Michel Valet said he had received a complaint from the school and had ordered a police investigation to discover the "origin of these calls and letters and the identities of those behind them."
The Ozar Hatorah school was at the centre of a national drama on March 19, when self-declared Al-Qaeda operative Mohamed Merah pulled up on his scooter and attacked a crowd of pupils and parents waiting for class.After killing a 30-year-old religious studies teacher and his two sons aged four and five, the 23-year-old Islamic extremist pursued a seven-year-old girl onto the grounds, grabbing her and shooting her through the head.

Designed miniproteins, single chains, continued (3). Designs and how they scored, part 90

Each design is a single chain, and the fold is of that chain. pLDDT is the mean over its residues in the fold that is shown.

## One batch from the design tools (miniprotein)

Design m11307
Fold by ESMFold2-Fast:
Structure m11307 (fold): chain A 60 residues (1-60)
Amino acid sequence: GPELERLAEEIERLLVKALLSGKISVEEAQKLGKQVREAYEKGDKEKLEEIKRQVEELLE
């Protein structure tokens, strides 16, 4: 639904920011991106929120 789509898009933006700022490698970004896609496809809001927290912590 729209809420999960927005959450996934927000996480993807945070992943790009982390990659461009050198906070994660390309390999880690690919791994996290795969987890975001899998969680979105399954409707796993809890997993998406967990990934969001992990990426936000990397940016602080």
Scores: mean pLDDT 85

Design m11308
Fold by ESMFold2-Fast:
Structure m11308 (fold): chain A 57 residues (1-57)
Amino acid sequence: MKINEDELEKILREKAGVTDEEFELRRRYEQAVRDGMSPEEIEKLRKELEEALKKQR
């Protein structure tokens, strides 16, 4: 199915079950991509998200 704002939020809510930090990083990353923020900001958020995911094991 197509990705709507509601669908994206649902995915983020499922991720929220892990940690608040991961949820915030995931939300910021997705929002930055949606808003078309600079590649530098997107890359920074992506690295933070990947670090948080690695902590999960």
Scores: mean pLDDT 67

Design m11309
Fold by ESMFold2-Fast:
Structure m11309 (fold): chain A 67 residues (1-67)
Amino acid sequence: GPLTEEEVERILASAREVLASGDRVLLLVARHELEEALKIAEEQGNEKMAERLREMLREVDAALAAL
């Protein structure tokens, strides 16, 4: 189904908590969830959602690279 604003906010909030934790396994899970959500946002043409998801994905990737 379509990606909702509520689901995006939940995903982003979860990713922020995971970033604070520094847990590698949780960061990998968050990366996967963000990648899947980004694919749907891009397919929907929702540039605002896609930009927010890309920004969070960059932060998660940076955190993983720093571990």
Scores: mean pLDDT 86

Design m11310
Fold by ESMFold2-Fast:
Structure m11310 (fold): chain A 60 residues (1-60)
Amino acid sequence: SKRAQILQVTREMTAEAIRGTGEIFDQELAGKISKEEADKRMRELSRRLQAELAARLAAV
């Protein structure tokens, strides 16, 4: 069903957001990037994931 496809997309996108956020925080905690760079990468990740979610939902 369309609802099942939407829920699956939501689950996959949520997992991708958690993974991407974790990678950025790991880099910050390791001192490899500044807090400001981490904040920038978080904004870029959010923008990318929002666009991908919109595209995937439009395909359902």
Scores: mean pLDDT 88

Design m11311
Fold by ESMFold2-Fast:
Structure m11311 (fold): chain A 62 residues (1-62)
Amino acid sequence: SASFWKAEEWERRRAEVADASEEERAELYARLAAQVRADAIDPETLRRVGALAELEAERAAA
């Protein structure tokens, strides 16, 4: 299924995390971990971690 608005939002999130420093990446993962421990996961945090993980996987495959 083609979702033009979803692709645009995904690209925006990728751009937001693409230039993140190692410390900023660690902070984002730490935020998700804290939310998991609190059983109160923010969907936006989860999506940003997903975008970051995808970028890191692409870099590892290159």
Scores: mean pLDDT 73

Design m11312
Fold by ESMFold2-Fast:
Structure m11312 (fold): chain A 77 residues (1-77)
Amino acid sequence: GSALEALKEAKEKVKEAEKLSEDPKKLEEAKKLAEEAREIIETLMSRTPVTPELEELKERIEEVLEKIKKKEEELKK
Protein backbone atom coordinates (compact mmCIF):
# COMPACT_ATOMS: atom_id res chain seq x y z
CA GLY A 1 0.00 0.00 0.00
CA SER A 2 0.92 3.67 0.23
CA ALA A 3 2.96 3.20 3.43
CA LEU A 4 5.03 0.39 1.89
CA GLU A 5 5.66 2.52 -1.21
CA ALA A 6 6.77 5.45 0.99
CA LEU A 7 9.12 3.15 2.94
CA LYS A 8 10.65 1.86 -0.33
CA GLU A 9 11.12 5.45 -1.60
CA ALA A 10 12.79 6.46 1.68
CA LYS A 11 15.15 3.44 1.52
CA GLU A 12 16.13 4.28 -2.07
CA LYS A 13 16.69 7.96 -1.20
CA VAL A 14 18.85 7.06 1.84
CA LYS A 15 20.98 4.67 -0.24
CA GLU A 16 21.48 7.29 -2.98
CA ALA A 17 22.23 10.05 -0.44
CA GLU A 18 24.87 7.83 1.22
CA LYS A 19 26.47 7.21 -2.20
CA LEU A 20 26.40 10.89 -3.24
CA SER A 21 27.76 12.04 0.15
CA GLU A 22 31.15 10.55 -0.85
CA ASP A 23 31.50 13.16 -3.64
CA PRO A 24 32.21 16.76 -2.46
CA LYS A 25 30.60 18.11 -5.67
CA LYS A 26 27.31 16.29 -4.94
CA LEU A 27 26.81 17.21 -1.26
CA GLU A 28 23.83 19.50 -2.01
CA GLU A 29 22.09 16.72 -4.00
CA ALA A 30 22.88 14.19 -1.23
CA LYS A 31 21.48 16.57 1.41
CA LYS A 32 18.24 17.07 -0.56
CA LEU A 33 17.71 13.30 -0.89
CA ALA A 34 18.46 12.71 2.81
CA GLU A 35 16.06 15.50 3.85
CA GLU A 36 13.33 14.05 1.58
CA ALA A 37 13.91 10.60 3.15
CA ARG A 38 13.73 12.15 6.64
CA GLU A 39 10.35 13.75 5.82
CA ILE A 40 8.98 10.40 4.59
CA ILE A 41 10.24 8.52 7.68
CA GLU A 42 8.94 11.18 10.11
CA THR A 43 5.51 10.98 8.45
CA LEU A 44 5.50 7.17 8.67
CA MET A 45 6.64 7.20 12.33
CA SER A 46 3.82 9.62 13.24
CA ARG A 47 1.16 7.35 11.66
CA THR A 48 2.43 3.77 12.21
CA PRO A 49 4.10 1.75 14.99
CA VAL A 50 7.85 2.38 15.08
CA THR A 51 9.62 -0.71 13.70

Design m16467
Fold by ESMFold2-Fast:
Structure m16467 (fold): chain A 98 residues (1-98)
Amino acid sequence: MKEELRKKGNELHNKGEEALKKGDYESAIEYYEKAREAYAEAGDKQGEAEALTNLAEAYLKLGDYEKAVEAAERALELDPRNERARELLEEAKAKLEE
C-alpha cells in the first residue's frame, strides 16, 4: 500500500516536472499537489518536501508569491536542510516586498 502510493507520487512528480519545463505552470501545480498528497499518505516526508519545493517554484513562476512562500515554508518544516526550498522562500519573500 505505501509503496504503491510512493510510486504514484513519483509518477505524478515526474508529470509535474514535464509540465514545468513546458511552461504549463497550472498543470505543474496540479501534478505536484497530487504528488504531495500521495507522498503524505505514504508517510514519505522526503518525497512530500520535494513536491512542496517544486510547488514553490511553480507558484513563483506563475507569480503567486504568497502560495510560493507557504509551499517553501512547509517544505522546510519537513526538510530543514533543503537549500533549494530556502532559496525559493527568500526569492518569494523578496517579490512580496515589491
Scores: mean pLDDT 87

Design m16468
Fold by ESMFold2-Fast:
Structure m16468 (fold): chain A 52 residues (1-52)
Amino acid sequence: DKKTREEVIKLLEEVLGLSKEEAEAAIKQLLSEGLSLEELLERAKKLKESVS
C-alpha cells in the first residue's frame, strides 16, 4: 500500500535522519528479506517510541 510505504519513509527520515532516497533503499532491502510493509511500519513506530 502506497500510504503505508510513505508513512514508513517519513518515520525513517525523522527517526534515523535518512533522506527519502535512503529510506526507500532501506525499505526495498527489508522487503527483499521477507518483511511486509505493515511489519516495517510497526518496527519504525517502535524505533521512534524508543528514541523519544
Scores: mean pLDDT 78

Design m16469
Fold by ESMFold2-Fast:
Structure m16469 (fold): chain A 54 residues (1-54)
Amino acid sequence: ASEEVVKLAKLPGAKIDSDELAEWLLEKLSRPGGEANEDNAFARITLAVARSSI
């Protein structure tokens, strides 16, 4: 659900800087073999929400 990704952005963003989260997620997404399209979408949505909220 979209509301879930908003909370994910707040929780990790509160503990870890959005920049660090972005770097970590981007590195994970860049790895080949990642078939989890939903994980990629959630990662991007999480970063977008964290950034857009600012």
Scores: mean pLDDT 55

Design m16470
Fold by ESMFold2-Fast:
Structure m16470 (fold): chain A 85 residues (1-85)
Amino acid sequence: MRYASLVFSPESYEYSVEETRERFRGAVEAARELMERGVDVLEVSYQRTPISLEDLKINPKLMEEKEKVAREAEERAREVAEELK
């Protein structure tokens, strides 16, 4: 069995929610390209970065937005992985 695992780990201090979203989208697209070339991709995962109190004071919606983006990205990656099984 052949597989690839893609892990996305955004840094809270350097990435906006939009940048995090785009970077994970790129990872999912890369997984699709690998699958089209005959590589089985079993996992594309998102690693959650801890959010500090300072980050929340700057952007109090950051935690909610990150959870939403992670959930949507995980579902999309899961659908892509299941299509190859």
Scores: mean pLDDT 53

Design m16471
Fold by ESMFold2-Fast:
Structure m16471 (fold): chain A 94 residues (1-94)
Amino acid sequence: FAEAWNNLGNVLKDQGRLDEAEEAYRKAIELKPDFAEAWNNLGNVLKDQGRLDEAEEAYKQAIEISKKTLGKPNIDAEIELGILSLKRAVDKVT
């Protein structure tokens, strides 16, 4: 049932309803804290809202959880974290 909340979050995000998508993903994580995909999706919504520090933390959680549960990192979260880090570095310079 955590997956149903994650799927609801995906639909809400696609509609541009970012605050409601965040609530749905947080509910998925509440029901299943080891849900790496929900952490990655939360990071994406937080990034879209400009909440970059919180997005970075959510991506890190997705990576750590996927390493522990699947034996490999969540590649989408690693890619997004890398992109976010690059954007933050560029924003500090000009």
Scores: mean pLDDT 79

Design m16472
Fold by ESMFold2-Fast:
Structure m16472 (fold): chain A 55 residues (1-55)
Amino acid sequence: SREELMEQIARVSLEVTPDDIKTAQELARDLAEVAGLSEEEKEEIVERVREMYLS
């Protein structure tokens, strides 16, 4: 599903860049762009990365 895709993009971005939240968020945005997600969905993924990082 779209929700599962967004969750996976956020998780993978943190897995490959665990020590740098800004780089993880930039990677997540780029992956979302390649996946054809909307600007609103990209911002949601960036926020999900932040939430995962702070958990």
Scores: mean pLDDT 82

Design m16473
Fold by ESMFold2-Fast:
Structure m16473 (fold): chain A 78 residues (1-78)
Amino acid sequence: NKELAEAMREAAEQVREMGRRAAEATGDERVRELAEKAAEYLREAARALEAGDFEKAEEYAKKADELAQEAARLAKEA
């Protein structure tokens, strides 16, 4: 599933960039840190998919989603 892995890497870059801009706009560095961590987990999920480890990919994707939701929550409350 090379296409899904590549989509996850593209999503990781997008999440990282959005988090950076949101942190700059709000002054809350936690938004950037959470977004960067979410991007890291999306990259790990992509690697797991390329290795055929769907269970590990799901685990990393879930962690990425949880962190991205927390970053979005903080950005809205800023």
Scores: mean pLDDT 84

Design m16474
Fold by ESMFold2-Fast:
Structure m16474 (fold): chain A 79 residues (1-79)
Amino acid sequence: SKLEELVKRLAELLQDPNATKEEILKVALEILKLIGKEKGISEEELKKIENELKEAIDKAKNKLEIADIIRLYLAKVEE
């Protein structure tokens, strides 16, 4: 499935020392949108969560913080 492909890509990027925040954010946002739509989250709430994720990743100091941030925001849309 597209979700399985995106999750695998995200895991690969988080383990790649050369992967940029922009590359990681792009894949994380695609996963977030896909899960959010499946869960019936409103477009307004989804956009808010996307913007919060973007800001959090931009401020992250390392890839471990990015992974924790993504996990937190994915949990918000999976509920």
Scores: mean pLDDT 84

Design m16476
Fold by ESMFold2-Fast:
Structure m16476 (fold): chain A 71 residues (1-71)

The local head of a Jewish representative group, Marc Sztulman, said the school's email system had filled up with messages "calling for the murder of Jews or drawing a vague link with the Israeli-Palestinian conflict."On Monday, a 12-year-old Jewish boy was beaten but not badly hurt by three unidentified teenagers in an anti-Semitic attack outside another school in the Ozar Hatorah group, this time in Paris, according to police.
President Nicolas Sarkozy and other national leaders have called for national unity since Merah's attacks, insisting that his crimes do not represent Islam nor France's large Muslim minority.But some figures, notably far-right presidential candidate Marine Le Pen, have linked the attacks to what they see as a too liberal immigration policy, despite the fact that Merah was a French-born Muslim.